Archive for Friday, November 30, 2007

Check options on seller-paid closing costs

November 30, 2007


The cooling housing market has prompted many sellers to pay for a buyer's closing expenses to make a deal, but some lenders are now skittish about financing such transactions.

Q: Home sales in our area have been slow, so we followed our real estate agent's advice to offer to pay some of the buyer's closing costs so we could make a fast sale. We got a buyer about three weeks ago and signed a contract that obligates us to provide an $8,000 credit to help pay for his closing costs. The preliminary closing statement we received last week says that his closing costs will total only about $4,500, but his lender will not permit us to give him a check for $3,500 to make up the difference. What can we do?

A: Like you, many sellers in areas where prices have cooled now are offering to pay part of a buyer's closing costs to induce a quick sale.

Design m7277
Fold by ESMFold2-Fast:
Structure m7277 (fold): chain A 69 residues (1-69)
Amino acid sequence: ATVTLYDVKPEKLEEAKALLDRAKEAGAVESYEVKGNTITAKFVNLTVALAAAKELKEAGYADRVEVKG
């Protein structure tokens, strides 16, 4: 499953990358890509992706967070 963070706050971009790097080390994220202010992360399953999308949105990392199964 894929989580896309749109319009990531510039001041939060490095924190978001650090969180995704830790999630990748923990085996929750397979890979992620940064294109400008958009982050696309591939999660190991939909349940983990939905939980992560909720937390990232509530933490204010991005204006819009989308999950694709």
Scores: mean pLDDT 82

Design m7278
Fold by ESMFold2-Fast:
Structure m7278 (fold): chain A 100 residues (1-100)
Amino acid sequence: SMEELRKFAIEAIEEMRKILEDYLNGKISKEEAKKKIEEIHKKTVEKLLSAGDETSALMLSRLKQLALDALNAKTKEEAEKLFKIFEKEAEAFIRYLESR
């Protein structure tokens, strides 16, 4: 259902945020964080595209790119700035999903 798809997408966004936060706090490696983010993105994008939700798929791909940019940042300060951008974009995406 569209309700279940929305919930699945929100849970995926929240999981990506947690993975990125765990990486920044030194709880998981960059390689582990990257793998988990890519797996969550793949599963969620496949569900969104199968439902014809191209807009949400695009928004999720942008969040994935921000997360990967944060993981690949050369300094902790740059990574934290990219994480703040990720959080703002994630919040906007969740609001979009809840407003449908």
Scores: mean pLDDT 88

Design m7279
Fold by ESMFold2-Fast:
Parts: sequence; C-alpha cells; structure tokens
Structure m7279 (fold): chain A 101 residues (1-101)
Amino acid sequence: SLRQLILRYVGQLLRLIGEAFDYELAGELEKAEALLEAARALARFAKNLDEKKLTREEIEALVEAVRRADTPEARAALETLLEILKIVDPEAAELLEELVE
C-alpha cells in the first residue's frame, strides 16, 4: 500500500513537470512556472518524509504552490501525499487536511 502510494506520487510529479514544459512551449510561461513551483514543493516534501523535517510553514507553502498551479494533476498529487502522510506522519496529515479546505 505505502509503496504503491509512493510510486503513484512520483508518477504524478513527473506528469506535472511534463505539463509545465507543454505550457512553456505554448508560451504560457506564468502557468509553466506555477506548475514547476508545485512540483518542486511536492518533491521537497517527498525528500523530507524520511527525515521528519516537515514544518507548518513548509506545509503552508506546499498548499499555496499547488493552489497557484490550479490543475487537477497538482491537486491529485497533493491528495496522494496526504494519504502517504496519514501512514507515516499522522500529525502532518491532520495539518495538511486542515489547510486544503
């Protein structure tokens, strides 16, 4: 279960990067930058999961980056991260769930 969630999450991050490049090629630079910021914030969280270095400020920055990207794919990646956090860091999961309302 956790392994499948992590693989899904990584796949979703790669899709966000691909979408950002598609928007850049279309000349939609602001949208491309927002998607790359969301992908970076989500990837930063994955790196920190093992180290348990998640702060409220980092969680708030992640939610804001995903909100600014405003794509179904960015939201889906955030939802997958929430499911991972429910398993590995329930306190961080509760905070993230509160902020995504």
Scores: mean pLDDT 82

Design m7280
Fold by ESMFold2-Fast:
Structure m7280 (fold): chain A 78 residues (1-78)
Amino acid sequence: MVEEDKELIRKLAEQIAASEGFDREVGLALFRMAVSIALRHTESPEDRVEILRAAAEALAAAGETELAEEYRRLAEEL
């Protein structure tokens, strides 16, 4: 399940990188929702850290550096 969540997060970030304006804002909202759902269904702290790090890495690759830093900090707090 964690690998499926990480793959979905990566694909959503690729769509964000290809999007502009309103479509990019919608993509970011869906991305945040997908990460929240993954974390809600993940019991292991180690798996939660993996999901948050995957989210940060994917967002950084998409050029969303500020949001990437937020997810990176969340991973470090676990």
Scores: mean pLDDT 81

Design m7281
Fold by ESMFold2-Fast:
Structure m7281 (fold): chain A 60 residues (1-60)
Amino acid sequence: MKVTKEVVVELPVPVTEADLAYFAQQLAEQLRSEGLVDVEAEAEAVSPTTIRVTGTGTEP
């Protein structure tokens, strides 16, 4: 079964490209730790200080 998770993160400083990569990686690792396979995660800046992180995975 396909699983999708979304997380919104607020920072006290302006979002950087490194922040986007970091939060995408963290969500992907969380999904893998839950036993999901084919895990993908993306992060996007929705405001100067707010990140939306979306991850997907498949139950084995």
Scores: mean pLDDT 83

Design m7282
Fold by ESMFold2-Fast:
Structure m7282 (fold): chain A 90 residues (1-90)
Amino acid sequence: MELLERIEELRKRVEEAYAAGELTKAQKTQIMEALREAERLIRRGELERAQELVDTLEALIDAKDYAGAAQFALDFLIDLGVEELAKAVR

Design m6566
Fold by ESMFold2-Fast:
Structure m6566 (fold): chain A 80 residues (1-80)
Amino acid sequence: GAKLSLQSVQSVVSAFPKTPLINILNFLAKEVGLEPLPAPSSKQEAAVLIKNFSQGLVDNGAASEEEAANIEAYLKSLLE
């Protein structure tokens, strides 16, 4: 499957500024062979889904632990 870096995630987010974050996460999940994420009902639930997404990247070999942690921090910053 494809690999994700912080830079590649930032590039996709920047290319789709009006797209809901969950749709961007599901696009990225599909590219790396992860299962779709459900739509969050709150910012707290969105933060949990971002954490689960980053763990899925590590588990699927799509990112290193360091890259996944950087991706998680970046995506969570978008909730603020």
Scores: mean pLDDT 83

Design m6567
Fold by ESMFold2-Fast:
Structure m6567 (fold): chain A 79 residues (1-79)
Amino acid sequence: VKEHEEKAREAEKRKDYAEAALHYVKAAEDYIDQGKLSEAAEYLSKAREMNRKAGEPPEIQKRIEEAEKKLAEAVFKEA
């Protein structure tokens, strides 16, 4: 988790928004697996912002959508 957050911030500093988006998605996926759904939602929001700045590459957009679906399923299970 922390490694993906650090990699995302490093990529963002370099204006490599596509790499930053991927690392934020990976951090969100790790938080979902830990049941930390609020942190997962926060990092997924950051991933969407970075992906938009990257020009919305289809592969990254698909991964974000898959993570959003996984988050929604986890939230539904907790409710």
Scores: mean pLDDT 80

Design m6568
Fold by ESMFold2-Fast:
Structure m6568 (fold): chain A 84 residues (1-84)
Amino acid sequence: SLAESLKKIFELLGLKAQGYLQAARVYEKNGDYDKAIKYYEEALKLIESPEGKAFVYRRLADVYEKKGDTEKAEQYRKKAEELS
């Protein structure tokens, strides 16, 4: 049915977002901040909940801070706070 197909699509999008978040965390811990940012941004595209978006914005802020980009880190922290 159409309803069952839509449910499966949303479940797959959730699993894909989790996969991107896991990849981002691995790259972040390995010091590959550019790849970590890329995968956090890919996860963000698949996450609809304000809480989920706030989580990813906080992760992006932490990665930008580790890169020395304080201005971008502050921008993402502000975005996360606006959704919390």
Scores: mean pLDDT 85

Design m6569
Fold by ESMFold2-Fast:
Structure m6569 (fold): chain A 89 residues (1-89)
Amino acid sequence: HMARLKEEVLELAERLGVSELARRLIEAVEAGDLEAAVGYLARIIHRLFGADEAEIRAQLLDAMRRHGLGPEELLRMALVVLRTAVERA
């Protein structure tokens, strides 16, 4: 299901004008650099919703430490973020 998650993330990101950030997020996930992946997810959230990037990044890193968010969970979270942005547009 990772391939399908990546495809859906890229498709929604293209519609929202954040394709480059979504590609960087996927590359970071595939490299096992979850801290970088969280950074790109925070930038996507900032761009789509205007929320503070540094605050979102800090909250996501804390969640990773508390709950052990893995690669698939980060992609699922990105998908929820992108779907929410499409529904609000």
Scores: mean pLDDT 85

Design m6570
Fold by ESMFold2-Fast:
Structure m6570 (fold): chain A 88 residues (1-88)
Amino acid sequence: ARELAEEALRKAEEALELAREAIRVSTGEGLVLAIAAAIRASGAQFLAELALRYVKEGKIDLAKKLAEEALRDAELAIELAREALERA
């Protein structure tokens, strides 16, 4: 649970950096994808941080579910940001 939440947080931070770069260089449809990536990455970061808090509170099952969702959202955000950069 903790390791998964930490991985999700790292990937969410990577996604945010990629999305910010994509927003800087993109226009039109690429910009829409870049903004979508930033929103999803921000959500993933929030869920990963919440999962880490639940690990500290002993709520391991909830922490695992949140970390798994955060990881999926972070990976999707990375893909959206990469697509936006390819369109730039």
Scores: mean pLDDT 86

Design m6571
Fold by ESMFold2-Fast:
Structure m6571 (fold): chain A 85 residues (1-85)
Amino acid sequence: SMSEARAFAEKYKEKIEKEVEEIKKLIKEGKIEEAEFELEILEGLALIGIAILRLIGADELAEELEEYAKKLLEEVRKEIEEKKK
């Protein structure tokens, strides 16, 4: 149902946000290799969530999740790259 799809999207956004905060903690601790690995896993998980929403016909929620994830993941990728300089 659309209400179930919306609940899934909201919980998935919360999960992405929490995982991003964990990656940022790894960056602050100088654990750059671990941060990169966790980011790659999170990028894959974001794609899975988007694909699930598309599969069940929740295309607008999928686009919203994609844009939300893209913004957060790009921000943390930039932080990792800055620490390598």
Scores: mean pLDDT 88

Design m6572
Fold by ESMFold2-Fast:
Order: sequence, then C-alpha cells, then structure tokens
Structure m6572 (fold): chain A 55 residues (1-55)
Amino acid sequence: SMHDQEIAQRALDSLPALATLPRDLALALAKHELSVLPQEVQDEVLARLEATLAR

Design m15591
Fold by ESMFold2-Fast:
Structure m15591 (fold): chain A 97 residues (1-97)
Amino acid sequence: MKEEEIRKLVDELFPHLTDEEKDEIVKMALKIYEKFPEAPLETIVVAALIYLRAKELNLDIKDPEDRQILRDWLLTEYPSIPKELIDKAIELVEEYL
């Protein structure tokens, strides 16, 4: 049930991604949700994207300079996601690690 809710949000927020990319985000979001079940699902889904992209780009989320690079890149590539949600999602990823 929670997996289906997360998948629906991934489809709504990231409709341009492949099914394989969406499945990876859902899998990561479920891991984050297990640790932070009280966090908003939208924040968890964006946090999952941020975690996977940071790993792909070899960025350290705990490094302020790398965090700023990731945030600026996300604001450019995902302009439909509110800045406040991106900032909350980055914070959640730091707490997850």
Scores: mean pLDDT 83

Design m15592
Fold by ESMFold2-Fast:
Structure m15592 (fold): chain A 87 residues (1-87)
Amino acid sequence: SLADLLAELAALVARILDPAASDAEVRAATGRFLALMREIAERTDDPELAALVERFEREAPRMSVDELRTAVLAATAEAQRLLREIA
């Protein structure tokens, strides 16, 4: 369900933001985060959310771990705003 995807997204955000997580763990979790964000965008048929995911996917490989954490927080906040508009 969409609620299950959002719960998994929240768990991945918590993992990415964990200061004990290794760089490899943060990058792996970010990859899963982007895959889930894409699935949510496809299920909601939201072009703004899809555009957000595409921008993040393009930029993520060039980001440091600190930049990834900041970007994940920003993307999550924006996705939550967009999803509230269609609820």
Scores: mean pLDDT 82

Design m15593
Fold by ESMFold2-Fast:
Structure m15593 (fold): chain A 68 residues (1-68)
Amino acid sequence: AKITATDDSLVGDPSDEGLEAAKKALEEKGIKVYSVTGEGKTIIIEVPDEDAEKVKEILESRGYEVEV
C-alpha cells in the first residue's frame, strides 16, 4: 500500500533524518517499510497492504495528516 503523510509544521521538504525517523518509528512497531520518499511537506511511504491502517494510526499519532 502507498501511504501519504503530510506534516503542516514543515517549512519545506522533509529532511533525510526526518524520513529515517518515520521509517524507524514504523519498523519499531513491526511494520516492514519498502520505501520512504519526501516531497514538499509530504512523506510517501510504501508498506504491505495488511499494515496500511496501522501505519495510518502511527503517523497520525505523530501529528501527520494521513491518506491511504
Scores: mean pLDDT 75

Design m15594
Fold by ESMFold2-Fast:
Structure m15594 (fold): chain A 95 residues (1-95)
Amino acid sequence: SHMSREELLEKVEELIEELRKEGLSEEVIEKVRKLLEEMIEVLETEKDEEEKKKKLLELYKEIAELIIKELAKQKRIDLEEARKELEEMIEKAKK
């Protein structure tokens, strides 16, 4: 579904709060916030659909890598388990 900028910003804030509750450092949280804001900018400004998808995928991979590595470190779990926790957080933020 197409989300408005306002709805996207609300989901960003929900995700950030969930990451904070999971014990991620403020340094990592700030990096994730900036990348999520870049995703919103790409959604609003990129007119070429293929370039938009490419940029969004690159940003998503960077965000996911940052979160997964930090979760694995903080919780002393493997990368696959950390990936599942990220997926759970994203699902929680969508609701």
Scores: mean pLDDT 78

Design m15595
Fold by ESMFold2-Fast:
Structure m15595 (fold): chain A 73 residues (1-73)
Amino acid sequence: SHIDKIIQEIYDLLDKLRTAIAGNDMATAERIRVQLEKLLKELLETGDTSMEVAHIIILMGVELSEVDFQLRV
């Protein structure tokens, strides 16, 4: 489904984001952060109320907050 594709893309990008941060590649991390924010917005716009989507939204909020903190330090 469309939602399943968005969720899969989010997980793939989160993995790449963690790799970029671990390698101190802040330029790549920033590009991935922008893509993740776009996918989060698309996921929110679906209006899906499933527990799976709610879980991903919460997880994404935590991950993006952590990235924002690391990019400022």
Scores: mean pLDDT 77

It's often a good marketing technique to make a house sell faster because it reduces the amount of upfront cash that a buyer must have to complete a purchase.

Many banks, however, prohibit their home buyers from accepting a seller's credit that exceeds the amount of the buyer's actual closing expenses. Several lenders also require that any seller-paid closing credits be used to cover a buyer's one-time-only, "nonrecurring" costs - such as upfront loan fees - rather than premiums for homeowners insurance or other such "recurring" fees that must be paid on a regular basis until the mortgage finally is retired.

Because the bank won't let you make up the $3,500 difference by writing a check to your buyer, the easiest solution may be to simply drop the agreed-upon asking price by the same amount.

For example, let's say you have agreed to sell your home for $225,000 and that you also have agreed to give the buyers an $8,000 closing credit. Because the buyers' closing costs will be only $4,500, you could simply amend the sales contract to reduce the credit to $4,500 and simultaneously cut the sales price to $221,500 to make up for the $3,500 difference.

The arrangement should satisfy the bank's requirement that the seller-paid closing costs ($4,500) do not exceed the buyer's actual closing expenses. It could let your buyer complete the transaction without scrambling for extra cash and also will allow you to reap the same net profit if the terms of the first contract were left intact.

Discuss your options with your real estate agent, your buyers and the bank that is financing the deal. You might also want to consult with a real estate attorney.


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